Impaq takes a closer look at what the proposed bill will mean for home education.
In an effort to modernise education laws, Basic Education Minister Angie Motshekga published the Draft Basic Education Laws Amendment (BELA) Bill in the Government Gazette on the 13th of October 2017. The new bill proposes important changes in home education law and aims to clarify some of the issues that have been raised in various court cases in the past few years.
Home education was legalised in South Africa under the South African Schools Act (SASA) in 1996 and has been increasing in popularity since then. Impaq, an integrated education solution, estimates that there are currently around 90 000 home-education learners in South Africa, of which 16 000 makes use of Impaq’s products and services.
What is the new BELA Bill about?
The draft BELA Bill proposes to amend the South African Schools Act (SASA) (Act No. 84 of 1996) and the Employment of Educators Act (EEA) (Act No. 76 of 1998), so as to align them with developments in the education landscape. The amendments include clarifying certain existing provisions and adding certain provisions not provided for in the existing legislation. While most of the amendments in the BELA Bill apply to public or independent schools, there are some changes relevant to home-education learners and parents, as well as tutors supporting these learners.
How will this bill affect parents?
The most significant aspects, proposed by the BELA Bill, which affects home-education learners are listed below, though most of them do not differ from what is already legally required:
- The BELA Bill provides more detail on the role of the parent when it comes to assessing a learner’s progress and determining whether the learning objectives have been met. (Previously taken up in the Home Education Policy of 1999).
- Compared to the existing documents, the BELA Bill provides more clarity on the deregistration of a learner and the role of the Head of Department (HOD).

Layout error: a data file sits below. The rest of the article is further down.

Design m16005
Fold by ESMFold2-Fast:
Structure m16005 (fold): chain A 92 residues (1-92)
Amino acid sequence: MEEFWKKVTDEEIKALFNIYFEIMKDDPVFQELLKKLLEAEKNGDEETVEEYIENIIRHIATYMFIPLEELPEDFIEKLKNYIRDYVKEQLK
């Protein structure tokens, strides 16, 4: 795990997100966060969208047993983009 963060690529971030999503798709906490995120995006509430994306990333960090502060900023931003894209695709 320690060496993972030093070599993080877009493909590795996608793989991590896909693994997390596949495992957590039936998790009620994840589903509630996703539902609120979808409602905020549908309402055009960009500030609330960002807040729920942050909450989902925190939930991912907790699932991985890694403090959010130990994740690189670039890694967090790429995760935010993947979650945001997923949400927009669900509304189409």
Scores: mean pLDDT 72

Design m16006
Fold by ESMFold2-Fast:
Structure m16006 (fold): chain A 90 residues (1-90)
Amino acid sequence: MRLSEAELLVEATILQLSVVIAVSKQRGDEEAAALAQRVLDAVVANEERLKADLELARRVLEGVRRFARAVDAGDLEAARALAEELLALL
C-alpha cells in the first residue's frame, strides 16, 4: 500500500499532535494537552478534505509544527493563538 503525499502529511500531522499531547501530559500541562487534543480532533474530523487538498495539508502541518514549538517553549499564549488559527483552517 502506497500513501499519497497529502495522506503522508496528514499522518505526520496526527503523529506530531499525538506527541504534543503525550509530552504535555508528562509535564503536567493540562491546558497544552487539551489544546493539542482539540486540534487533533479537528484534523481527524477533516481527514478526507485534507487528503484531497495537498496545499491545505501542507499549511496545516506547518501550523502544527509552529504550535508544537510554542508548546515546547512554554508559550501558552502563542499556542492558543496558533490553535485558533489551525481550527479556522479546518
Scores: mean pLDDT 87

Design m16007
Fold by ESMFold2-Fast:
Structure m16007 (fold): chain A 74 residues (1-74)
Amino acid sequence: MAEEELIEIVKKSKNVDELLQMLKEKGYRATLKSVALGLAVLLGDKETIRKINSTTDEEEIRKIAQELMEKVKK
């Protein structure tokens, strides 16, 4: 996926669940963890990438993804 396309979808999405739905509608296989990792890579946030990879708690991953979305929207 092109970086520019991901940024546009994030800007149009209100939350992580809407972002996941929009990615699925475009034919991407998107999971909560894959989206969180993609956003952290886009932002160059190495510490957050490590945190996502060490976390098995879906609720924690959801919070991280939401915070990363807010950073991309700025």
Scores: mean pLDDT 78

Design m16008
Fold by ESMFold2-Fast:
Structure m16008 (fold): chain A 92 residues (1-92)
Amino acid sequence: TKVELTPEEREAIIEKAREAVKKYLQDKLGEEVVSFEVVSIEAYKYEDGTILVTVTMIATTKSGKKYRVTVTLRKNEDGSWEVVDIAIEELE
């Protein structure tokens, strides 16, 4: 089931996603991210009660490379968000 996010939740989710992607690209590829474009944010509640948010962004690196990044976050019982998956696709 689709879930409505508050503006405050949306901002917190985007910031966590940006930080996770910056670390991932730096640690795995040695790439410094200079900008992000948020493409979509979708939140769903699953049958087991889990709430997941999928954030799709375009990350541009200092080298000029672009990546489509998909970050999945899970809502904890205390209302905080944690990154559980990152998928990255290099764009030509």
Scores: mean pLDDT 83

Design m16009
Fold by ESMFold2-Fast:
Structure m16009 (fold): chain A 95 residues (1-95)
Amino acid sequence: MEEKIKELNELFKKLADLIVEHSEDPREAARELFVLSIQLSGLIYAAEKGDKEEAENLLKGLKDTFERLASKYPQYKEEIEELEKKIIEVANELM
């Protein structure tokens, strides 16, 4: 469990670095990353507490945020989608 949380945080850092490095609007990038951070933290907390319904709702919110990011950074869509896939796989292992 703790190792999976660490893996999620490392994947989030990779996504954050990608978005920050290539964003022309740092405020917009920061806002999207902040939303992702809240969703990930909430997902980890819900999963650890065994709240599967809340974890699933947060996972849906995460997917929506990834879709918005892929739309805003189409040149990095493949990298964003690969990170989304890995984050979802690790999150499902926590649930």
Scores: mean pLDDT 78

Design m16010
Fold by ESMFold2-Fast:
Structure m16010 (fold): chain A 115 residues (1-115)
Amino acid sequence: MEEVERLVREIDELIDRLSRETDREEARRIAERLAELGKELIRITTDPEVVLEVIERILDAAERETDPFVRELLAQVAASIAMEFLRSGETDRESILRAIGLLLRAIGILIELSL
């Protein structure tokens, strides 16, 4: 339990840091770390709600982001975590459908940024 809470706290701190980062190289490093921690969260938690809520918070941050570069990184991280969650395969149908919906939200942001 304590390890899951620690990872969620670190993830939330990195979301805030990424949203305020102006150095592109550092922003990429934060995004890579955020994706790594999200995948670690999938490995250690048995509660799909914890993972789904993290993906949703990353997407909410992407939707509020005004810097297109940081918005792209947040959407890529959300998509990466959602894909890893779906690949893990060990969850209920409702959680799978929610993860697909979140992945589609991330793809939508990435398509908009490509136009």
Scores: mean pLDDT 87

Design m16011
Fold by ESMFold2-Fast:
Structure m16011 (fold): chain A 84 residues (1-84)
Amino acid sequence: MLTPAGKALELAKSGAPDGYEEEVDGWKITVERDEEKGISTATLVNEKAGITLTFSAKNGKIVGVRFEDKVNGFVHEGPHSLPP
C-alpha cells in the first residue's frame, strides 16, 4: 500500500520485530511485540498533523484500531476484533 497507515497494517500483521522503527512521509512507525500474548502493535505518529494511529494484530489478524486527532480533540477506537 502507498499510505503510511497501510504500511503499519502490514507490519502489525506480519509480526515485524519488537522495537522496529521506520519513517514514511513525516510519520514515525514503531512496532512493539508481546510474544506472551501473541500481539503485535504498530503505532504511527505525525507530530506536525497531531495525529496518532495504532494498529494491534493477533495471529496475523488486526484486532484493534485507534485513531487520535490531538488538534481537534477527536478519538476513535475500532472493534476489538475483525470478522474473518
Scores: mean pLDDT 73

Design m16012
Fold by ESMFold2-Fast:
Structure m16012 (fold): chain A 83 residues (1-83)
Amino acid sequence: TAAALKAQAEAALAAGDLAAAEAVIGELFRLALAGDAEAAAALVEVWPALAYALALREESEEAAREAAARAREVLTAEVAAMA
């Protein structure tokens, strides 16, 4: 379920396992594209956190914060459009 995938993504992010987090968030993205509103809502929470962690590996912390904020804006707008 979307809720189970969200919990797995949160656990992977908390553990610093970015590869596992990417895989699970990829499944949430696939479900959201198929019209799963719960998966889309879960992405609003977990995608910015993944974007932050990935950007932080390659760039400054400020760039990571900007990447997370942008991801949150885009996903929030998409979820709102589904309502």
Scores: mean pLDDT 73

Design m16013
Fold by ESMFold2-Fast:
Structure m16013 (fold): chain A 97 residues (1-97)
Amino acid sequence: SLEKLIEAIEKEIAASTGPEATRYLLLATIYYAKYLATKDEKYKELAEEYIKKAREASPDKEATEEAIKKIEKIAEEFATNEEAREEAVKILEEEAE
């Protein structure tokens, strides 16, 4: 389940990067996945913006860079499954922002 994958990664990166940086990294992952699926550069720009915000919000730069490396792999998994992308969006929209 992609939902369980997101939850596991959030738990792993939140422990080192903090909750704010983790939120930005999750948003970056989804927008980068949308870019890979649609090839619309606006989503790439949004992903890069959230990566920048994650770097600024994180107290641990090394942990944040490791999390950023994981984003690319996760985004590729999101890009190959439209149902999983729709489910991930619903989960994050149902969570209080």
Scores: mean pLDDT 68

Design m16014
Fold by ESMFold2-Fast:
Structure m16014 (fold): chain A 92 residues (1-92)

- A significant change to the previous documentation is that parents who want to continue to educate their child at home after their child has completed Grade 9 must use the services of a private or independent service provider accredited by Umalusi to register for the National Senior Certificate (NSC). According to the bill, the intention of this amendment is to guide and assist parents to help ensure that the lesson material used for education at home will be of the required standard. Keep in mind that this requirement only relates to parents who want their child to complete an NSC. It does not apply to any other curriculum.
The future of home education
The next few months will decide the future of home education in South Africa. Impaq has already provided a first round of comments through the Home Education Working Group of the Department of Basic Education (DBE) on the 13th of October 2017.
Stefan Botha, CEO of Optimi (which owns Impaq), said that their clients’ interests come first. “We at Impaq will continue to engage with the relevant authorities and use all legal and other avenues available to us to ensure that our clients’ rights are protected”, Botha said. He added that they will continue to support their clients’ in their quest to provide the best possible education for their children. Impaq will deliver another round of comments directly to the Minister by the 10 November 2017 deadline.
All home educators, parents, institutions and organisations have been invited to submit their comments on the bill by 10 November 2017. The draft BELA Bill can be found here:
Impaq is a CAPS-aligned curriculum provider. They provide all the necessary products, services and tools a learner needs to complete Grade R to Grade 12 at home. Tutor centres across the country make use of Impaq’s products and services while schools and teachers also benefit from Impaq’s lesson materials and teacher guides. Impaq is part of Optimi. Optimi is an education group that provides a guided learning ecosystem to learners at school, at home or any other environment.